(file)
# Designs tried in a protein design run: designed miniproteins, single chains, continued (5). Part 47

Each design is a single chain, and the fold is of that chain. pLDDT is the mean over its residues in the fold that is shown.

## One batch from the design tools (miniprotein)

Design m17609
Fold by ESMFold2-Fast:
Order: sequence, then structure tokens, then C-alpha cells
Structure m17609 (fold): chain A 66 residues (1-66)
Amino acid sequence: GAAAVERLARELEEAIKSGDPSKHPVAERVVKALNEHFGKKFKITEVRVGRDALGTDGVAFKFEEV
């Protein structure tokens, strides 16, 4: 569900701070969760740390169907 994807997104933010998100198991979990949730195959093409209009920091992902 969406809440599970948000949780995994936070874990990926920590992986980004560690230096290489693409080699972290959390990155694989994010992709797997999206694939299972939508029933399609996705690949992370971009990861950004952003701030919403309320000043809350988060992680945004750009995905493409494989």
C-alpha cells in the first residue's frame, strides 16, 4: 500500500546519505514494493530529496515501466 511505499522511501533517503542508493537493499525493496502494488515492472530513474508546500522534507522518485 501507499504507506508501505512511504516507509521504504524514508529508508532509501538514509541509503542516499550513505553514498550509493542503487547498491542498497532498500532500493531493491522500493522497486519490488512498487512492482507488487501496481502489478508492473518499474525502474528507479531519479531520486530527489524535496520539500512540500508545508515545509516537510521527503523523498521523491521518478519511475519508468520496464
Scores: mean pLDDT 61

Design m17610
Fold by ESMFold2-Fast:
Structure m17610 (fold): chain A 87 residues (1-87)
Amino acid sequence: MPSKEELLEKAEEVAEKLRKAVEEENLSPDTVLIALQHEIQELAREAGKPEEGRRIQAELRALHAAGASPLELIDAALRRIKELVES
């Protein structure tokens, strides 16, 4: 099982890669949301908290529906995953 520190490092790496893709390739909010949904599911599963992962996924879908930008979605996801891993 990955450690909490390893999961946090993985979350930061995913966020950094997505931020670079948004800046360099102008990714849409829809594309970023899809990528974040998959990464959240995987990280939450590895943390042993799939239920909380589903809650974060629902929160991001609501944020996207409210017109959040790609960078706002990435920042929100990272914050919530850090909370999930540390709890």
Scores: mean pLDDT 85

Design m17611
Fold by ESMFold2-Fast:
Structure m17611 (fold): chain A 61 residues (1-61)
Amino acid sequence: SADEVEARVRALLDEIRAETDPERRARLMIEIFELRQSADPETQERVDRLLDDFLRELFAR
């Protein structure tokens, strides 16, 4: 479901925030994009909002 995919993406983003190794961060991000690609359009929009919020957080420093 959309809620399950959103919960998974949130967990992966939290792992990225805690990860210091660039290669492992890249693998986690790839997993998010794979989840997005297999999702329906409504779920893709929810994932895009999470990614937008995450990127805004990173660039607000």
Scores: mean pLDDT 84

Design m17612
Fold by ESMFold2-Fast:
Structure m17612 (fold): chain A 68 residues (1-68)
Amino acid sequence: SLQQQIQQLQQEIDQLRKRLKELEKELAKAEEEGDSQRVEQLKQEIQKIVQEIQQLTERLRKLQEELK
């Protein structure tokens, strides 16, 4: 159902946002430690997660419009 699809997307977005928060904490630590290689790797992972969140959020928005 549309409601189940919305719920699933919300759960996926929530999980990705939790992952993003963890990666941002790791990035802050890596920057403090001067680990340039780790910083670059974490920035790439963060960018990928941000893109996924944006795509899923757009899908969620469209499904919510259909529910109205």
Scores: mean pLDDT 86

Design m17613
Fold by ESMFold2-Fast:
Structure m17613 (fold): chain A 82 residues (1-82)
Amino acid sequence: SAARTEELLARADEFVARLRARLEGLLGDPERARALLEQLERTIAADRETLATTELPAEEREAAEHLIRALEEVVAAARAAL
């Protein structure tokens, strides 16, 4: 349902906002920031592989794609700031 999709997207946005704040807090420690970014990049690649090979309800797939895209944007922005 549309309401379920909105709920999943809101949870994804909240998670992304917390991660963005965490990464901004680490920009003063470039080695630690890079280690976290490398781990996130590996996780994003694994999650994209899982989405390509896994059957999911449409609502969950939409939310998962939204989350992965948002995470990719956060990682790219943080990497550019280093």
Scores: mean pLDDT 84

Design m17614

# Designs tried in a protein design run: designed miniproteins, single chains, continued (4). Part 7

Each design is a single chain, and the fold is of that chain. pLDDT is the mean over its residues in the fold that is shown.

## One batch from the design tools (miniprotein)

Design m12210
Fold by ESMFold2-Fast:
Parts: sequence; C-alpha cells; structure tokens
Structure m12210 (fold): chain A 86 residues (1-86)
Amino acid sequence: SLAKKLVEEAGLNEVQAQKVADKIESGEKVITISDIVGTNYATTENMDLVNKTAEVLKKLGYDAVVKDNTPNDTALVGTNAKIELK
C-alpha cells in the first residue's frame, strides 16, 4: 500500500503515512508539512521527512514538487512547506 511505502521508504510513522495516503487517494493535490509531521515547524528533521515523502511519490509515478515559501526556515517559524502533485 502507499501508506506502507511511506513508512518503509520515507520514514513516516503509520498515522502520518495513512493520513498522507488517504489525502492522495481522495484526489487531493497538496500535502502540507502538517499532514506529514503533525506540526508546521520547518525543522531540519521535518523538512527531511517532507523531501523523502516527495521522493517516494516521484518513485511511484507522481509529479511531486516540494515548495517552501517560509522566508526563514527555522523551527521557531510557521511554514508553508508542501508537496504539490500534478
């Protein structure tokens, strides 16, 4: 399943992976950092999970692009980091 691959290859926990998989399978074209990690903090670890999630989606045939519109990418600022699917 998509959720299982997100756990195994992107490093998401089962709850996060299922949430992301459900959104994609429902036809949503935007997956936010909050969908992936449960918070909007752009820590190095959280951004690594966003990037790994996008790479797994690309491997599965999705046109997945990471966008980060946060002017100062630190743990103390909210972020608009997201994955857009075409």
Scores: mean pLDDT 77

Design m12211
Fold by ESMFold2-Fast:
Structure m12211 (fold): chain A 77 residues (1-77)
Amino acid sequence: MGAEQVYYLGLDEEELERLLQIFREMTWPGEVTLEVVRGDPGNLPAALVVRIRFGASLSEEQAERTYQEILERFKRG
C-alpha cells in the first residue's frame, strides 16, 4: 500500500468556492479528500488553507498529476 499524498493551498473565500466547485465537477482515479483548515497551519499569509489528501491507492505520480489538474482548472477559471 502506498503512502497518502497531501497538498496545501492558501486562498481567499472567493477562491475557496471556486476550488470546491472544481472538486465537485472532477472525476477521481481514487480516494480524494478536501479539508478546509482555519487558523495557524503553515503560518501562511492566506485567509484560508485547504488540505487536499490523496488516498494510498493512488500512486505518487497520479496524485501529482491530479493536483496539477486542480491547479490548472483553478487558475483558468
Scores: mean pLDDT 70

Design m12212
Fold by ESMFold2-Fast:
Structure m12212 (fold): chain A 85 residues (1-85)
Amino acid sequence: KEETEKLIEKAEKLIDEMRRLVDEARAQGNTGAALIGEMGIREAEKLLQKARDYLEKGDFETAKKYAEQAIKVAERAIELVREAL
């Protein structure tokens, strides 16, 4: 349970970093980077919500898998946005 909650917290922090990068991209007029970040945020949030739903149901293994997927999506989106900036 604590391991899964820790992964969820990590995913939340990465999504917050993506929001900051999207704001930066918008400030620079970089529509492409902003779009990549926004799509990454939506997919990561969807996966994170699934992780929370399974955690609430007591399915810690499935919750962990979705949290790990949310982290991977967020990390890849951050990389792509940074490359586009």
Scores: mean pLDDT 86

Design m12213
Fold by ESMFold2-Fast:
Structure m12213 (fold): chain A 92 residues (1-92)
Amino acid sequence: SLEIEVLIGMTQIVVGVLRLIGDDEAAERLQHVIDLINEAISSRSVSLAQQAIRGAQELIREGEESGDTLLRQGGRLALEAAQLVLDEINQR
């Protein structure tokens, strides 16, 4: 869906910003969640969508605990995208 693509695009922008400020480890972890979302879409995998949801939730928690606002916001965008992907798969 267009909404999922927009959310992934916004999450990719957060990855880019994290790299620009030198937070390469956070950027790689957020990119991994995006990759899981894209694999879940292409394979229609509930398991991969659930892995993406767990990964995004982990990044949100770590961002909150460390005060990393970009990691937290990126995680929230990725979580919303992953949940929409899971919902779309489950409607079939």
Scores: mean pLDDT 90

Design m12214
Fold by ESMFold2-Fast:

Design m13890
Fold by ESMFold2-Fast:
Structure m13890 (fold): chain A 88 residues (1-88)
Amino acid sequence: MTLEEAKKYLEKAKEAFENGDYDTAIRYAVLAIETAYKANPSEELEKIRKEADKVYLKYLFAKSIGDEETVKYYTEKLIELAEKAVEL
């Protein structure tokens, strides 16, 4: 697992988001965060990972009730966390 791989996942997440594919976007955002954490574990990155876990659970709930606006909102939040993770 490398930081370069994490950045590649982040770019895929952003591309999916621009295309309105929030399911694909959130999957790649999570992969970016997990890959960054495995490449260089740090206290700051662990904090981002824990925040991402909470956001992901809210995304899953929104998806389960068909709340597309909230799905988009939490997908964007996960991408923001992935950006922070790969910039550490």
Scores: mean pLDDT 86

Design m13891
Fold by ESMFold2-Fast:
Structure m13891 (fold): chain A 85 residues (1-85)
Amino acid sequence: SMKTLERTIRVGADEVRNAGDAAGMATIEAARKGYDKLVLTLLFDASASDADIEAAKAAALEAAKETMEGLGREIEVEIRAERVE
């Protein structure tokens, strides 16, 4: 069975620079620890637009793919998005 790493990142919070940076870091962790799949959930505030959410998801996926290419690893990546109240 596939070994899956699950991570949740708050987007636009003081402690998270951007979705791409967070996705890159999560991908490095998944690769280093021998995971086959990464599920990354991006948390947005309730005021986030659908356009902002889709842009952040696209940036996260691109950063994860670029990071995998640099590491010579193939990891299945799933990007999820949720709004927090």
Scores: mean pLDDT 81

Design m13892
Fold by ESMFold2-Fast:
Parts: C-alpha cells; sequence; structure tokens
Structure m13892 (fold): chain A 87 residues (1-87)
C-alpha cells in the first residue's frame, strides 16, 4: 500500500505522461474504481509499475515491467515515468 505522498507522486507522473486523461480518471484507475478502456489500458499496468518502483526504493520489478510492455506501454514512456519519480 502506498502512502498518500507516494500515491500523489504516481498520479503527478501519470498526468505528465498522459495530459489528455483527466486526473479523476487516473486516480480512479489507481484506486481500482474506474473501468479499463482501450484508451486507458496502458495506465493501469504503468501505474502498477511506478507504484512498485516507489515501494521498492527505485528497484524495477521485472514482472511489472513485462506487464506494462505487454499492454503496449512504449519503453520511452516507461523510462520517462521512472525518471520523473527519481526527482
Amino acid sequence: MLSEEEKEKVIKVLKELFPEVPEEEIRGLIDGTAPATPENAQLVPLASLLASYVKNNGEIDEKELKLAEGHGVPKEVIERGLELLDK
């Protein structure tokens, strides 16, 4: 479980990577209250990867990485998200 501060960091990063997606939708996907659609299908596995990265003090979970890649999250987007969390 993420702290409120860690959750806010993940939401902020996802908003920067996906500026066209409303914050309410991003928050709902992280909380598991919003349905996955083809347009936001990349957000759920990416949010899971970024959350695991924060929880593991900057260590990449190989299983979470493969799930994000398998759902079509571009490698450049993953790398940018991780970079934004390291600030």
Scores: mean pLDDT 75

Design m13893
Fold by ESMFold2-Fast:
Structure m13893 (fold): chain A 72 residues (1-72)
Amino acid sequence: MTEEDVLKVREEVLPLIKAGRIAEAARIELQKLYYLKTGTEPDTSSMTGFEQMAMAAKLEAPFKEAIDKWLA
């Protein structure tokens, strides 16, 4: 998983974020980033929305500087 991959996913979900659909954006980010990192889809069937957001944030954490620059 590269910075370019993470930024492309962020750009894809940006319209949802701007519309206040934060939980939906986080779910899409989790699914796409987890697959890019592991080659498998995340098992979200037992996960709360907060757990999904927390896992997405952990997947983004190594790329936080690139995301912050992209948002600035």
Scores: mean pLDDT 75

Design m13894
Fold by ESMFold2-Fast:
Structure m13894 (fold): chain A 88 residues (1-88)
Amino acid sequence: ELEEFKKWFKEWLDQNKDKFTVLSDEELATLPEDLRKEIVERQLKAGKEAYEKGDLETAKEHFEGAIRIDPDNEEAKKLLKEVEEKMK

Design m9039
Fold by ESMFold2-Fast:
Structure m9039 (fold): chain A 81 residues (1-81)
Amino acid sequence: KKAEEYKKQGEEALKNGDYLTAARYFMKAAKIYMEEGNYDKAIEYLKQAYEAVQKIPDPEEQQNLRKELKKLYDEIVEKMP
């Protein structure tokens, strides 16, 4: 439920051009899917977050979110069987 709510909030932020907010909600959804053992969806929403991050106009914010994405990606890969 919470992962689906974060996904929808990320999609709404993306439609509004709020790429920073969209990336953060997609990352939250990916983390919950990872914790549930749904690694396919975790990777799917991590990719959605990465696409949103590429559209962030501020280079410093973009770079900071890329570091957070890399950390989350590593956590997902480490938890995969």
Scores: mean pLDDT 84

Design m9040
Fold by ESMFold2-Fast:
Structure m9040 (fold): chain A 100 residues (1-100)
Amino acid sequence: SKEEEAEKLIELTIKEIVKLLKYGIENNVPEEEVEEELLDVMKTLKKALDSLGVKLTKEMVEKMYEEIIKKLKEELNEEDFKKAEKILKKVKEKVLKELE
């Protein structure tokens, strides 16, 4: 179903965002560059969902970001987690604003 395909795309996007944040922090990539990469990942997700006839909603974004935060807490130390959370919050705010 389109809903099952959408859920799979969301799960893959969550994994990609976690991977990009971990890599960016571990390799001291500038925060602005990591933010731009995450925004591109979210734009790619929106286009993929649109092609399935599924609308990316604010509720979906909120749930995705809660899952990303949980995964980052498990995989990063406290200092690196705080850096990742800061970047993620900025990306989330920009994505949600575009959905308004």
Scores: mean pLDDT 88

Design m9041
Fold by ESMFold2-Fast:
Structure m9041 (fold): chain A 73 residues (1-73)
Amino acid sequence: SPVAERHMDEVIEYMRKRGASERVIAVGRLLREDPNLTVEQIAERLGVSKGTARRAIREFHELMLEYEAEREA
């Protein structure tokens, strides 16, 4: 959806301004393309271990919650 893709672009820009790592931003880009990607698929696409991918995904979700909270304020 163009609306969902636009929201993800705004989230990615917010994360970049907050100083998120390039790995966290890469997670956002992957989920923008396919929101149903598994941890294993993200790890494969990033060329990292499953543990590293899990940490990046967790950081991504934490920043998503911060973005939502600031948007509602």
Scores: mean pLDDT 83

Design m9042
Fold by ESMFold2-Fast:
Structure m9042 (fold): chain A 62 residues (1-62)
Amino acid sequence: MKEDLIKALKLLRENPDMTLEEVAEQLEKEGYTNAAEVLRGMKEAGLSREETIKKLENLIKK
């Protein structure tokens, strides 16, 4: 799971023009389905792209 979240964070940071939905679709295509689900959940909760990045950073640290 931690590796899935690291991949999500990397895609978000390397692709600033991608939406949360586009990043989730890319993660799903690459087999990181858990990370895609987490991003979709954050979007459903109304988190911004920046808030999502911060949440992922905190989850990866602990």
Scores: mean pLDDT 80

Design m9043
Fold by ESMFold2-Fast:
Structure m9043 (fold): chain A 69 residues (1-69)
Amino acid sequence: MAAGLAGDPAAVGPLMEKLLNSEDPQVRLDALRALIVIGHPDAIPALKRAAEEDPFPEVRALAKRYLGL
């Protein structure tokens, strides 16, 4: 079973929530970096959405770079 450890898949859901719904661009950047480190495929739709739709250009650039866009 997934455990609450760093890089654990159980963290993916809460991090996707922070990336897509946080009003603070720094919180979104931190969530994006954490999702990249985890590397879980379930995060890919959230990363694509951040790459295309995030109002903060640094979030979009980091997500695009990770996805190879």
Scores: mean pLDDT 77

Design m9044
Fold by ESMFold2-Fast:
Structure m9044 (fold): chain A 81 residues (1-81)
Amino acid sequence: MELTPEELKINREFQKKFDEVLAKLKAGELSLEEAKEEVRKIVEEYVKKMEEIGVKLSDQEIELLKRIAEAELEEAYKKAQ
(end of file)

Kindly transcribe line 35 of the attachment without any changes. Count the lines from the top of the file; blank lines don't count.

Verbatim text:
Scores: mean pLDDT 84